The government lacks comprehensive data on ransomware attacks and suffers from fragmented reporting, according to a new US Senate committee report.
The 51-page report from the Senate Homeland Security and Governmental Affairs Committee calls on the government to swiftly implement new mandates for federal agencies and critical infrastructure organizations to report ransomware attacks and payments to attackers.
The 10-month investigation, which focussed on the role of cryptocurrency in ransomware payments, found that reporting on attacks is "fragmented and incomplete", in part because the FBI and Cybersecurity and Infrastructure Security Agency (CISA) both claim to have the "one stop" website for reporting attacks – respectively, IC3.gov and StopRansomware.gov.
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Since the investigation began, the US has introduced several new laws to improve ransomware incident reporting and data collection, including the Cyber Incident Reporting Act of 2021, which passed the Senate in March, 2022 under the Strengthening American Cybersecurity Act.
The new laws require critical infrastructure organizations to report cyberattacks to CISA within 72 hours and ransomware payments within 24 hours.
CISA said in March it would immediately share incident reports with the FBI, but the investigation found shortcomings with this arrangement.
"While the agencies state that they share data with each other, in discussions with committee staff, ransomware incident response firms questioned the effectiveness of such communication channels' impact on assisting victims of an attack," the report states.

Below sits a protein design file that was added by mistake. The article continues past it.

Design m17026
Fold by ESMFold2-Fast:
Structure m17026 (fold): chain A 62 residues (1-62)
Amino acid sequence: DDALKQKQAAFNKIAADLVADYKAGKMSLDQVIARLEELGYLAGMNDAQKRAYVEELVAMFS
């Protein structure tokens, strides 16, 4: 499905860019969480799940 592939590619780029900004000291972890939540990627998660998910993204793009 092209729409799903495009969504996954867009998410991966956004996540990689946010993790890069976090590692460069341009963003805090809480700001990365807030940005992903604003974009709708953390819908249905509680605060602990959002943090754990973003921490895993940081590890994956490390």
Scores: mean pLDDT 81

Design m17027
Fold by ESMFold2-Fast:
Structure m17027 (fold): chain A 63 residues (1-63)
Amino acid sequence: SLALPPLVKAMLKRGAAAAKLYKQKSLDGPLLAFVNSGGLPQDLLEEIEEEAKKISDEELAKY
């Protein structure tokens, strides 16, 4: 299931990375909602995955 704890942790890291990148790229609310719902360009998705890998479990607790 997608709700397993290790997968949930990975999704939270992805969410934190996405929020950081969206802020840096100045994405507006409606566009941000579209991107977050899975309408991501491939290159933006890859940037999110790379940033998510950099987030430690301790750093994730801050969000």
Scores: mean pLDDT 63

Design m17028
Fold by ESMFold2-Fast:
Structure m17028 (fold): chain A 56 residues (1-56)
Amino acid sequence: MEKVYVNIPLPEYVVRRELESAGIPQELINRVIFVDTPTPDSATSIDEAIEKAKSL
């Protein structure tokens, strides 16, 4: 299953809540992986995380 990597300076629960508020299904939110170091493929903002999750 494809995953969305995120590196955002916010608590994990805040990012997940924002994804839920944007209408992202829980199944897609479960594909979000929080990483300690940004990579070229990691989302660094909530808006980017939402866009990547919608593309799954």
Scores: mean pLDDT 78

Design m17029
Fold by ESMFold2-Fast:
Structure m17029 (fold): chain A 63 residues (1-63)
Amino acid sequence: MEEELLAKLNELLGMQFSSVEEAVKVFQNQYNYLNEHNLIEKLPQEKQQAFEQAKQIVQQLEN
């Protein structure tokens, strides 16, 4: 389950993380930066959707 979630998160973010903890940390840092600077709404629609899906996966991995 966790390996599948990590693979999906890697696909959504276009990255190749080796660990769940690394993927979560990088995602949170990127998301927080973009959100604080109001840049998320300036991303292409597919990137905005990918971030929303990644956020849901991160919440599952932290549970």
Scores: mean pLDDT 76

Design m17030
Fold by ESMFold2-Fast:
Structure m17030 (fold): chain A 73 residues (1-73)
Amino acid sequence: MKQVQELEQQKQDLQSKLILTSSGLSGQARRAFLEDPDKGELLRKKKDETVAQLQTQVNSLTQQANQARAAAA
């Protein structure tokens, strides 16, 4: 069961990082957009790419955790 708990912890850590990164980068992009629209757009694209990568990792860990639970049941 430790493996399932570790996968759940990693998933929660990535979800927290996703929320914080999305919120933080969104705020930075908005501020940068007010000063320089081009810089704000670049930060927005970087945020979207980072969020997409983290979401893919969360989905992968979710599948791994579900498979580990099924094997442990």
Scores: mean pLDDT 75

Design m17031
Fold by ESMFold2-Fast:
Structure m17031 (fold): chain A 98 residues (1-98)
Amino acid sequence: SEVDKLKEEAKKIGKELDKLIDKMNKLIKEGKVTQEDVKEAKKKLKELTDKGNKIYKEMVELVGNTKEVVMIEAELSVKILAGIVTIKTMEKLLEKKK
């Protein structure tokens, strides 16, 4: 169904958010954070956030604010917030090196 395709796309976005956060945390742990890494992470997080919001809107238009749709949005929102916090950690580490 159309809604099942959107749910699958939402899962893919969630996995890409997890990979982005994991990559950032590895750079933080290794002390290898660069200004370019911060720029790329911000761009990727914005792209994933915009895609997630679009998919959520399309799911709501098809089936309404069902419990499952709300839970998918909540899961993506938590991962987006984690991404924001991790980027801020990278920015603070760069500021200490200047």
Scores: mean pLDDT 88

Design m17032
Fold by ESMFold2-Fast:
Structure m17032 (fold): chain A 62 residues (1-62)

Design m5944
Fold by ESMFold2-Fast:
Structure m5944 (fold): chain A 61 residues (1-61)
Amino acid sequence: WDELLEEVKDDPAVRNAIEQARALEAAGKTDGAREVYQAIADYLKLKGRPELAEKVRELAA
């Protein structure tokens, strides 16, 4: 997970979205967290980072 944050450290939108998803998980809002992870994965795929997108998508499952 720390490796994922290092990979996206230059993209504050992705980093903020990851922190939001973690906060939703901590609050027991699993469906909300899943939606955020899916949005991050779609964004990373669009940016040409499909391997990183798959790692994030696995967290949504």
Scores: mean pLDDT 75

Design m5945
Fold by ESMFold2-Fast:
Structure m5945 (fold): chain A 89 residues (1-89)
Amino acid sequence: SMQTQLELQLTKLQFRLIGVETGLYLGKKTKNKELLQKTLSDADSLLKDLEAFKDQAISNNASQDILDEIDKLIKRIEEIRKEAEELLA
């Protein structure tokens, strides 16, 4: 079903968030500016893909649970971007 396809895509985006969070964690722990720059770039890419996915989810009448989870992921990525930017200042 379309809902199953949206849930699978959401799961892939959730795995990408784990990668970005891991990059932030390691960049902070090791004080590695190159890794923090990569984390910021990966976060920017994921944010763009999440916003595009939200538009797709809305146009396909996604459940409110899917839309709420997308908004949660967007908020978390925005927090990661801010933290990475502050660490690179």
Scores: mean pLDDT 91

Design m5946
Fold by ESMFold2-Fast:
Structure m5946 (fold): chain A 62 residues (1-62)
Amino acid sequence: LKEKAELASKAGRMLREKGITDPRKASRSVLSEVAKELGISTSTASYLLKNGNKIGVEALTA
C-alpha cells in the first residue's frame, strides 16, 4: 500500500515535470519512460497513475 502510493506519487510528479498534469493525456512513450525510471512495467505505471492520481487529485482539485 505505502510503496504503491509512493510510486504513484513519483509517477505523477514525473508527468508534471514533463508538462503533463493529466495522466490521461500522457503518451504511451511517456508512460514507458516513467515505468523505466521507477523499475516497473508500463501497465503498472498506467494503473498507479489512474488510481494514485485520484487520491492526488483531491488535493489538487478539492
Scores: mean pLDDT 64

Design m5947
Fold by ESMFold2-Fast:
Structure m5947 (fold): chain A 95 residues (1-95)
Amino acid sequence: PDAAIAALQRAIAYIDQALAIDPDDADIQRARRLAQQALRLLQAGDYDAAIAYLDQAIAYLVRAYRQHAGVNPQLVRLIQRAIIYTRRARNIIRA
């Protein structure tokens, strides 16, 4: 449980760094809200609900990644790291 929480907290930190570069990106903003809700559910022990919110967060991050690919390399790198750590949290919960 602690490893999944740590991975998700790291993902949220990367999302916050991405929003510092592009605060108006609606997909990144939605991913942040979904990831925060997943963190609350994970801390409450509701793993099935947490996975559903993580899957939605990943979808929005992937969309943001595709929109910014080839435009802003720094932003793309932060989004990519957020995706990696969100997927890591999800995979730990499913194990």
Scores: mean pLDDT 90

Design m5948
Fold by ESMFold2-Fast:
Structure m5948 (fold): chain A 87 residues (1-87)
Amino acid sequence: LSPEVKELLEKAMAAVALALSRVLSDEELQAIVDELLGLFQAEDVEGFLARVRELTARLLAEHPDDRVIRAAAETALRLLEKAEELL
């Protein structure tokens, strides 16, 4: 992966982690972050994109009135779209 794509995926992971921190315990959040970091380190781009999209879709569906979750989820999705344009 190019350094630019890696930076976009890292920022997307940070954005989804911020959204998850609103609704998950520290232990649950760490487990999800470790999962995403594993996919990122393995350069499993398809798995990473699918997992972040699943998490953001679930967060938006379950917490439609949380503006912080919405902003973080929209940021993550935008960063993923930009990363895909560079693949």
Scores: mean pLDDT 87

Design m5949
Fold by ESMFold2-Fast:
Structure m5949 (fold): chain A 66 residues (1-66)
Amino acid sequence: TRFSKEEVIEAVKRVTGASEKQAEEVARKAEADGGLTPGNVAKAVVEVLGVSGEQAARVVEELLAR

Beyond the dual reporting functions of the FBI and CISA, there are sector-specific reporting regimes under Treasury's FinCEN, the Transport Security Administration, and the Security and Exchange Commission, as well as reporting through FBI field offices, and some state governments.
"These agencies do not capture, categorize, or publicly share information uniformly," the report notes.
It notes that the FBI's IC3 figures on ransomware are believed by experts to be a "subset of a subset" of data. The FBI admits its ransomware data in its annual IC3 report is "artificially low" as victims only voluntarily report incidents to the FBI. Meanwhile, FBI field offices that do collect ransomware victim reports lose contact with about 25% of victims during follow-up investigations.
FinCEN would like improved reporting of financial information related to ransomware attacks to give it better actionable data about the laundering of cryptocurrency ransoms, it notes.
The lack of comprehensive data impedes US responses through sanctions, law enforcement and international partnerships, as well as private sector contributions to ransomware recovery, the report said.
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The report calls on federal agencies to immediately implement the requirements under the incident reporting acts to share all incident reports with CISA "to enable a consolidated view of incidents from across different sectors and reported under different regulatory regimes."
The report also stresses that ransomware data collection is also critical for US national security, especially in the context of Russia's invasion of Ukraine.
"As Russia's invasion of Ukraine continues and Russia seeks to find ways around the international finance system, the need to address these shortfalls grows. Approximately 74 percent of global ransomware revenue in 2021 went to entities either likely located in Russia or controlled by the Russian government," the report notes.
"Further, CISA and other federal agencies have warned that Russia's invasion of Ukraine could lead to additional malicious cyber activity, including ransomware attacks, in the United States. Therefore, as the report finds, prioritizing the collection of data on ransomware attacks and cryptocurrency payments is critical to addressing increased national security threats."